A couple recent posts about wildlife on the Gunflint Trail from Steve Ramberg and Sue Prom got us thinking about the role wildlife’s played throughout Gunflint Trail history. The Gunflint Trail has always been a wild place where humans and wildlife often cross paths. Historically, wildlife have provided Gunflint Trail residents with a livelihood, food, and many, many good stories. In Chik-Wauk Museum and Nature Center’s own short history, we’ve had several encounters with moose, foxes, loons, turtles, and more. One of our favorite run-ins with wildlife came this past June when Mama Moose and her two calves decided to take an after lunch stroll on Chik-Wauk’s nature trails. (See above photo.)
Here are some of our favorite wildlife stories from the Gunflint Trail historical archives:
In Janna Webster’s Ki-osh-kons: people, places and stories of Seagull Lake, Webster described how Gunflint Trail doyenne and owner of several Gunflint Trail businesses, Eve Blankenburg could predict bear trouble, much to the dismay of her husband, Russell: “[Eve] was able to accurately predict when they would have bear trouble at the resort. She would occasionally announce, ‘We are going to have a bear tonight.’ It just about did Russell in that Eve could do this. Eve never did tell him that her clairvoyance was due to the fact that, without fail, they would get a visiting bear anytime she cooked a ham.”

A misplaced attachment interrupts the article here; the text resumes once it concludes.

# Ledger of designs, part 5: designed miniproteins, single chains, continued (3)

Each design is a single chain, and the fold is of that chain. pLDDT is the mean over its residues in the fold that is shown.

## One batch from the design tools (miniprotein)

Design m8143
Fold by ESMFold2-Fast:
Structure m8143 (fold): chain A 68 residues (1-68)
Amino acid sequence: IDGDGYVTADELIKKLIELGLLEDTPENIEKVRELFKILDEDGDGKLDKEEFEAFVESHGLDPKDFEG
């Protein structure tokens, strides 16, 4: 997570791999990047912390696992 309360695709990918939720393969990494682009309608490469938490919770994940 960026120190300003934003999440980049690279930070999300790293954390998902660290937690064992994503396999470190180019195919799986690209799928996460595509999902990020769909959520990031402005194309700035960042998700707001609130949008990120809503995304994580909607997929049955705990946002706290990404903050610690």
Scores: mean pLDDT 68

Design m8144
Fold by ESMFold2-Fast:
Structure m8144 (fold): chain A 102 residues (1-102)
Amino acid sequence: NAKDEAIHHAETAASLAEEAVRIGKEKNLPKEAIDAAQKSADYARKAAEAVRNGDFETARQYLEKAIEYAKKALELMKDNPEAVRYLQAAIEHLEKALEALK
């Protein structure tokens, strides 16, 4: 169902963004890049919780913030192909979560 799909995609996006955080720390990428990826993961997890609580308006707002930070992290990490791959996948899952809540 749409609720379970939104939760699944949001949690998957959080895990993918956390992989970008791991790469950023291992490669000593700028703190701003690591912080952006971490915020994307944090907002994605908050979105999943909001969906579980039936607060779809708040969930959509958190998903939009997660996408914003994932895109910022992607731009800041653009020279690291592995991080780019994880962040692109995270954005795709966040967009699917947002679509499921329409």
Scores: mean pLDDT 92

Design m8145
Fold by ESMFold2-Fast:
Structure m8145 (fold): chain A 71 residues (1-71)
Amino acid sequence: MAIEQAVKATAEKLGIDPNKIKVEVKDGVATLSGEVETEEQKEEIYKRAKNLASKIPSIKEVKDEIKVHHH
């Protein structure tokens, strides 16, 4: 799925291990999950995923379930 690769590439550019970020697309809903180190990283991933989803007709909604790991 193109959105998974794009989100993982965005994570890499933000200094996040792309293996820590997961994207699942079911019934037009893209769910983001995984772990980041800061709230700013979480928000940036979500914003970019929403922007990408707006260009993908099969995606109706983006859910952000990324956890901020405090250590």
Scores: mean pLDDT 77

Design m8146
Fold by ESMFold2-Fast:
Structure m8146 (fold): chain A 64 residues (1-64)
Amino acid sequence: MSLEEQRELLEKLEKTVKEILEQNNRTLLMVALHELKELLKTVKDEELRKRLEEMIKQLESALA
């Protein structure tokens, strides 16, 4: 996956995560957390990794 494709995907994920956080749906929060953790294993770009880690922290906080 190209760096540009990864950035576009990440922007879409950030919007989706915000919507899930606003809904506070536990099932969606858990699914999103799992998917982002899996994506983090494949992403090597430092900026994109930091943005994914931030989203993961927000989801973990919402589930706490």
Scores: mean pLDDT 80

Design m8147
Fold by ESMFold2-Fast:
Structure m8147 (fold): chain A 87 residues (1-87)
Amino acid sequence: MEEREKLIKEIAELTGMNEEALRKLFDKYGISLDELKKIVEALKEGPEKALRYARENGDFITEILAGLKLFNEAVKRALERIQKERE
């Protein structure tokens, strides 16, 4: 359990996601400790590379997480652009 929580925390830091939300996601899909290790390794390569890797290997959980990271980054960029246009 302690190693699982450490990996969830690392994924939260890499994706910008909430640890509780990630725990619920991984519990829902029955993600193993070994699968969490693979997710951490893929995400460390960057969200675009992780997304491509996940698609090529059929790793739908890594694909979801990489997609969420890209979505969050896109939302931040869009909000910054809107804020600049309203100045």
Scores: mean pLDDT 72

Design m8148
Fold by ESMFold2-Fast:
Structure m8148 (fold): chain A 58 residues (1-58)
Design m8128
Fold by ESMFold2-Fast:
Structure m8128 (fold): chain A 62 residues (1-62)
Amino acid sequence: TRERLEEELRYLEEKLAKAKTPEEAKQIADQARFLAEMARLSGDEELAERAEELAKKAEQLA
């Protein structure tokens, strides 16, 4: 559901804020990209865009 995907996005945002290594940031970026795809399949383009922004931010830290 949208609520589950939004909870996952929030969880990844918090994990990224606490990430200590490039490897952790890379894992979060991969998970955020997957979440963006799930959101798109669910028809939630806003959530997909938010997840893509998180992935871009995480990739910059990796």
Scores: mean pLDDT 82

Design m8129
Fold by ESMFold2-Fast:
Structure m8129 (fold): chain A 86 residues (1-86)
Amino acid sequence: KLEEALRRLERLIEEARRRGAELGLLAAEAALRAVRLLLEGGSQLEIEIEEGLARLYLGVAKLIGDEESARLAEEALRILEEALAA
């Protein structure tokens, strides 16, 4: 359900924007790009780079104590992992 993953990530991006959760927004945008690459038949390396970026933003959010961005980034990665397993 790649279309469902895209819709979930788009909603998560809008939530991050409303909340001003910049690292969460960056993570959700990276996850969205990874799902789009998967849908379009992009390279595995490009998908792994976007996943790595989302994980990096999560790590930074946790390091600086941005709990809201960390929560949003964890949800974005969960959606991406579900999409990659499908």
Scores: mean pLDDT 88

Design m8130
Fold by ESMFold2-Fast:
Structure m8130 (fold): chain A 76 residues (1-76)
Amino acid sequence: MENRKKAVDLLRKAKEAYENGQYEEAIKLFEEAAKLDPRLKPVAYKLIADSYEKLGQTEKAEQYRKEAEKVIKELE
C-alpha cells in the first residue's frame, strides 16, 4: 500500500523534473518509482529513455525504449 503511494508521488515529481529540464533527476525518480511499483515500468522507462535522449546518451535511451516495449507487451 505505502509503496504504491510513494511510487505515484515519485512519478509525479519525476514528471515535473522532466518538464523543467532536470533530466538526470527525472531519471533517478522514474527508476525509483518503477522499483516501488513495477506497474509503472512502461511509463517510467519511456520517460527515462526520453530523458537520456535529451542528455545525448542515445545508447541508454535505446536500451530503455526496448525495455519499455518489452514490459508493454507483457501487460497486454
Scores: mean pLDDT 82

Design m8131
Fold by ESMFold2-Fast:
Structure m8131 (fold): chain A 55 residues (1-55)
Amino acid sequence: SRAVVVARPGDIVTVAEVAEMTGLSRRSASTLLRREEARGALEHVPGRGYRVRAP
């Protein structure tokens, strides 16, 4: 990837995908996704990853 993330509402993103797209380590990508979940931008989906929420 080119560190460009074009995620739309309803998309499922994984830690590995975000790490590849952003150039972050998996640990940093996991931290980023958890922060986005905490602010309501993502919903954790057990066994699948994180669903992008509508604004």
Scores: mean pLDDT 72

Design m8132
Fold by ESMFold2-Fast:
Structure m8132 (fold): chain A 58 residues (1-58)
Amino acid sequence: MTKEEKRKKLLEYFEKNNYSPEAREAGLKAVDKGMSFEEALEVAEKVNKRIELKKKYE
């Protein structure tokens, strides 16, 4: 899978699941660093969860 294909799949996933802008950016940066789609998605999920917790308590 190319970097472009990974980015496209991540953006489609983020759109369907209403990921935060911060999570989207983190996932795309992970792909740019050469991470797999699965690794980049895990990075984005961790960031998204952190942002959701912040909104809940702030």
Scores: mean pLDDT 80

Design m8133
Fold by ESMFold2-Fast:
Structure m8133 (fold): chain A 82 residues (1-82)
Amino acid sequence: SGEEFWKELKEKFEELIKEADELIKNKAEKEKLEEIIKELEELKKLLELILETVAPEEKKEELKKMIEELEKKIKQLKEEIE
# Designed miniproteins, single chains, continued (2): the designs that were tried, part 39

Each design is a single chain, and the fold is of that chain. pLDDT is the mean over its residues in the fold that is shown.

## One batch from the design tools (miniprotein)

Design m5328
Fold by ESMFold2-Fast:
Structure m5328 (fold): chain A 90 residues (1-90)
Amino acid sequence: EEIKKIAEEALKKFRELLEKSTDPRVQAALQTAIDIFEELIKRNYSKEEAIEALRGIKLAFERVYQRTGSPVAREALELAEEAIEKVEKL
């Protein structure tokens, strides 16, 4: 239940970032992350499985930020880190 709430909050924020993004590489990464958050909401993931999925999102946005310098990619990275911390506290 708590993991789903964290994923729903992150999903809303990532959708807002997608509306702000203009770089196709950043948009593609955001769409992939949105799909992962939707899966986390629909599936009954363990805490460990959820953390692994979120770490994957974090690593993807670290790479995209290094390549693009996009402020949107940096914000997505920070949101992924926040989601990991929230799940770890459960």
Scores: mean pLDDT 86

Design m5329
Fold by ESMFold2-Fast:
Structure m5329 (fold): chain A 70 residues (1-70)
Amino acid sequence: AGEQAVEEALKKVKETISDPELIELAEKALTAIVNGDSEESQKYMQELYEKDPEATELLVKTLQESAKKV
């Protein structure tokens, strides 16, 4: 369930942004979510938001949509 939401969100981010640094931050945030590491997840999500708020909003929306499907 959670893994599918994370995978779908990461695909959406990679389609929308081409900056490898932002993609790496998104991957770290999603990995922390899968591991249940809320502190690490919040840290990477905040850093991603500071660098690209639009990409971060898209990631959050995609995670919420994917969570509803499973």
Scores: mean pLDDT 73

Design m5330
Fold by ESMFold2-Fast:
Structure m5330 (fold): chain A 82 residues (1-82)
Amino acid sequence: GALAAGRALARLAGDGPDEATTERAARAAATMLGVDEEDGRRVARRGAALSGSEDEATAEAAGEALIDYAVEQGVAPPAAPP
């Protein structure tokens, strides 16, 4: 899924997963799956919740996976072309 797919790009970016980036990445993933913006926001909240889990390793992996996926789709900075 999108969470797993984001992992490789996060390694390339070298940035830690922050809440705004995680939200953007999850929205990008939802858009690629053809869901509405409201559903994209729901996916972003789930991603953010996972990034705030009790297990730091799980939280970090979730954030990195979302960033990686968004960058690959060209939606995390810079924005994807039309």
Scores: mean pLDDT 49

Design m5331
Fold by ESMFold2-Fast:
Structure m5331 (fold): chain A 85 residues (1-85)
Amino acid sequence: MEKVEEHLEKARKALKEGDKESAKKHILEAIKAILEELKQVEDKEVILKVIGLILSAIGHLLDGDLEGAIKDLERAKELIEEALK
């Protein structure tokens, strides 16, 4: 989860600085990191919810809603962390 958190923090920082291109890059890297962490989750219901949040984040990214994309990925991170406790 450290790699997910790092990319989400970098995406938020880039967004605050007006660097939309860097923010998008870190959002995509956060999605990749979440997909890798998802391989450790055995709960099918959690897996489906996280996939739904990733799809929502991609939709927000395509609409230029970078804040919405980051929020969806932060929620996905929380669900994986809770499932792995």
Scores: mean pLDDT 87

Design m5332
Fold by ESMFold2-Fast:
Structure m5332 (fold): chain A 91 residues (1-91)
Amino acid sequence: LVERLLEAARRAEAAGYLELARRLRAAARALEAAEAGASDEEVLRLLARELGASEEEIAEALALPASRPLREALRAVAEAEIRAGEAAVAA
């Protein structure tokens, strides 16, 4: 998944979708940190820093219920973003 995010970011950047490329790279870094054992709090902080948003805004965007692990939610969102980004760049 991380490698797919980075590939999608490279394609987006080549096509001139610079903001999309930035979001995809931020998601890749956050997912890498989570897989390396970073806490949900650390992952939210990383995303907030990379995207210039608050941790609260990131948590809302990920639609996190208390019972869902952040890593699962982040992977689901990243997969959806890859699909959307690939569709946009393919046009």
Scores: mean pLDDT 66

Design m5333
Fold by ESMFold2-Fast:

Sue Kerfoot remembered in The Gunflint Lodge Cookbook, a hair-raising experience with wolves one winter during her early days on Gunflint Lake: “I was home alone with only our dog, Itzy, for companionship. My city fears of being alone at night were coming to the surface. Itzy was really restless. She kept getting up to look out the window. The fur would stand up on her neck. I let her out. Then she wanted in. Five minutes later it was out again. The outside flood light was on. I couldn’t see anything except deep shadows. Finally I stepped outside to see if I could hear anything. There was a pack of wolves very close to the house. Their howling sounded like it was right next to me. A chill went down my spine. I stepped back into the house and called Itzy in. For the next few minutes I sat inside and tried to convince myself that it was silly to be afraid. What could the wolves do to me? I was inside; they were outside.”
Wildlife of any size can create quite the impression. Paula Beattie remembers one incident while operating Moosehorn Lodge (now Cross River Lodge) in A Taste of the Gunflint Trail: “I was painting the kitchen when I heard a noise. I peeked around the corner into the dining room and saw nothing. I inched my way toward the living room. The noise of something wildly moving around was getting louder, and then I saw it: a DUCK! It was flying around the room crashing into windows, which is pretty much the whole front of the lodge. I was relieved, but then I had to get him out. “ Eventually, Beattie would get the duck out of the building, but it proved to be just the beginning of many wildlife encounters during her time on the Trail.
You can read more personal tales of wildlife encounters in the local resident book located in Chik-Wauk Museum and Nature Center’s reading corner.
What are some of your favorite Gunflint Trail wildlife stories?